It was also around this period that Refaey parted company with Clark and Cooper. (See "Tsk, Tsk, Tasca," by George Alexander, April 13, 2000.) At the time, it seemed to be a case of miscommunication, one side speaking the formal language of the business school, the other speaking more colloquially.
Then, when the Tasca partners were informed that a new entity had been created, Big Tejas Inc., and that a competing restaurant, Red Cat Jazz Café (713-227-2200), was going to be opened next door at 924 Congress, several partners became most uneasy. The original partnership agreement stated that no one had the right to compete with the Tasca trade name. Also, Refaey had to have the approval of the majority of the limited partners to commingle partnership funds with the general partner or an affiliate.
A limited partner with a $5,000 investment, Michael Majors became worried, and he and Cain hired CPA Robert T. Stevenson to meet with Refaey and prepare a summary, a thumbnail sketch of their investment's financial health and dealings. In a summary dated July 18, 2000, Stevenson opined that "Tasca is a profitable entity," but that there were "transactions between Tasca and Red Cat." He concluded, "It is my opinion that what has been happening regarding the transfer of funds to a competing entity without approval from the owner/partners is, at best, a conflict of interest and, at worst, a breach of fiduciary duty."
Majors then approached Refaey and was told he could not have his money back directly but could sell his interest to another party. Majors says Refaey then arranged this, and he received his $5,000 back. Speaking of his experience, Majors says, "It was terrible. The guy did not keep us informed of anything."
The creation of Red Cat and the leasing of space for a second Tasca on Post Oak Boulevard at San Felipe does not seem to bode well for those limited partners who have not found a way to be paid back. On July 13 the Comptroller of Public Accounts placed two liens against Tasca Ventures LLC. One was for alcohol taxes, paid by all holders of a TABC mixed-beverage license. It was in the sum of $6,555.84, which included penalties, for unpaid March 2001 taxes. The second lien was for sales taxes for the same period in the amount of $8,745.60.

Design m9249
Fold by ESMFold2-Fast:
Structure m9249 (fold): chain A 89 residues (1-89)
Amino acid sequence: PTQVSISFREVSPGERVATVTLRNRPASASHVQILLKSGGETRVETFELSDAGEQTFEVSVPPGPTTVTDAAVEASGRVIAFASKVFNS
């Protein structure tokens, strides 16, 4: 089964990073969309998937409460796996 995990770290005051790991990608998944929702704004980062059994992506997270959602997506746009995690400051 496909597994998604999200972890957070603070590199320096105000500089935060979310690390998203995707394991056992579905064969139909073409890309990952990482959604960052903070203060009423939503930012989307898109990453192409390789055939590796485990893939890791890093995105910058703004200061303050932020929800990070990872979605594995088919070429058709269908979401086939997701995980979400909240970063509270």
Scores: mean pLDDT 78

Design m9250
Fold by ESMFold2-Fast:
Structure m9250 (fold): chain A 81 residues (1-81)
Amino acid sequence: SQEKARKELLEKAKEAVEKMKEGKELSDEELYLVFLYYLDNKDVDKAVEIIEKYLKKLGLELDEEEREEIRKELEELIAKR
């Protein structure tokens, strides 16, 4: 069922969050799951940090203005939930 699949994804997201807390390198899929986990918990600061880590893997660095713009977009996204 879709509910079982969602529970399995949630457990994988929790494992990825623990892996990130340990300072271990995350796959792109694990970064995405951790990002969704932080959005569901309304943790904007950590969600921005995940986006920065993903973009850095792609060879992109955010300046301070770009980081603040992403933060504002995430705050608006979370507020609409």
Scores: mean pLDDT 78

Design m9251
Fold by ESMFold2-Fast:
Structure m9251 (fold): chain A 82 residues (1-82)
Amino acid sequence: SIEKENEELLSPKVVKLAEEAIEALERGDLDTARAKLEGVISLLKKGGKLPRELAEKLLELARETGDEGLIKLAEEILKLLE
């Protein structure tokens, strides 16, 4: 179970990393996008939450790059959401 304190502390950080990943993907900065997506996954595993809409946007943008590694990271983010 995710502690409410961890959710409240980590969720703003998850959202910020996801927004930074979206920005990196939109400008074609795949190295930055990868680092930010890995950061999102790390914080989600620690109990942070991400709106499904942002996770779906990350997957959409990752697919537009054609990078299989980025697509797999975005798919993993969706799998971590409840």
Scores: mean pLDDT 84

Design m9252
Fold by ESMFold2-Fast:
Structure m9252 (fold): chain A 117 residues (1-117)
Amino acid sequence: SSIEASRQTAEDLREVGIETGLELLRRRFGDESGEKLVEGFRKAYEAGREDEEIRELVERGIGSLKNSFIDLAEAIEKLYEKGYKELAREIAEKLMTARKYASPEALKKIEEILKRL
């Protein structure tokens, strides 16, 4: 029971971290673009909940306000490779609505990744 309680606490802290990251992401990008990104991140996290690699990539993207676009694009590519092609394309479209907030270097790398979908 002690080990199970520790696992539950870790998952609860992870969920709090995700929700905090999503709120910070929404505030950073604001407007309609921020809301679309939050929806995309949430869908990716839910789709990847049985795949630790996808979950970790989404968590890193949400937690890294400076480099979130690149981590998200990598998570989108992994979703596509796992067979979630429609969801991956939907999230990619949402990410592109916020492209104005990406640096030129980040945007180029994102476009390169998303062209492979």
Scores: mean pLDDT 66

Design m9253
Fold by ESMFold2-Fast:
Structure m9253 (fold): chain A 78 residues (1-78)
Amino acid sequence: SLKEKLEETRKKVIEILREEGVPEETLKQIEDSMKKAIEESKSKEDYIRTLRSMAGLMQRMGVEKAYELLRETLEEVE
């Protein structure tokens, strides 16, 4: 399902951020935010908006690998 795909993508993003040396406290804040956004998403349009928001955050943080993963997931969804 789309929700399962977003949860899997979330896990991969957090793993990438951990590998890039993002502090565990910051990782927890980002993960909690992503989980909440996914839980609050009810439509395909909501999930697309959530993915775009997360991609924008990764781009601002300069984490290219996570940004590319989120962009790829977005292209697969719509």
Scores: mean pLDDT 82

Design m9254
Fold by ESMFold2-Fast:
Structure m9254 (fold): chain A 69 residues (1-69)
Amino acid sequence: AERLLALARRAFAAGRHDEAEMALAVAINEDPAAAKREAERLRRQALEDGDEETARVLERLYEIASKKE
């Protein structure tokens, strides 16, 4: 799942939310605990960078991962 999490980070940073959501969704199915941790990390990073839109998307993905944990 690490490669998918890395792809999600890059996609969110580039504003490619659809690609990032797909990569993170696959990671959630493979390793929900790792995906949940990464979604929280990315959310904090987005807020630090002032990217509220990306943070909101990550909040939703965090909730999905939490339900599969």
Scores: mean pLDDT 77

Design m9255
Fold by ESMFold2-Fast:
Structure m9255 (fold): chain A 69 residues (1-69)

Steve Hughes, who works in the enforcement division of the comptroller's office, reports, "There was an action taken between July 12 and July 13. We call these limited seizures -- they usually don't have the full amount on hand." Since the "action" -- which usually involves armed, plainclothes agents coming into a bar and asking the customers to leave, then presenting the bill to the person in charge -- Hughes reports, "They have gotten square, and we have closed the collection case for the particular period that covers." Hughes also found that an action was taken around June 22 to collect alcohol taxes of $7,868.94 at the Red Cat.
What the future holds for Refaey and his investors is uncertain. The treasurer's report to the partners reveals net income from the Red Cat for the second quarter of this year to be $362. Refaey did not return our call for comment.
What began as a fairy tale has turned into a morality tale, or perhaps a fable, such as the one about the goose that laid the golden eggs.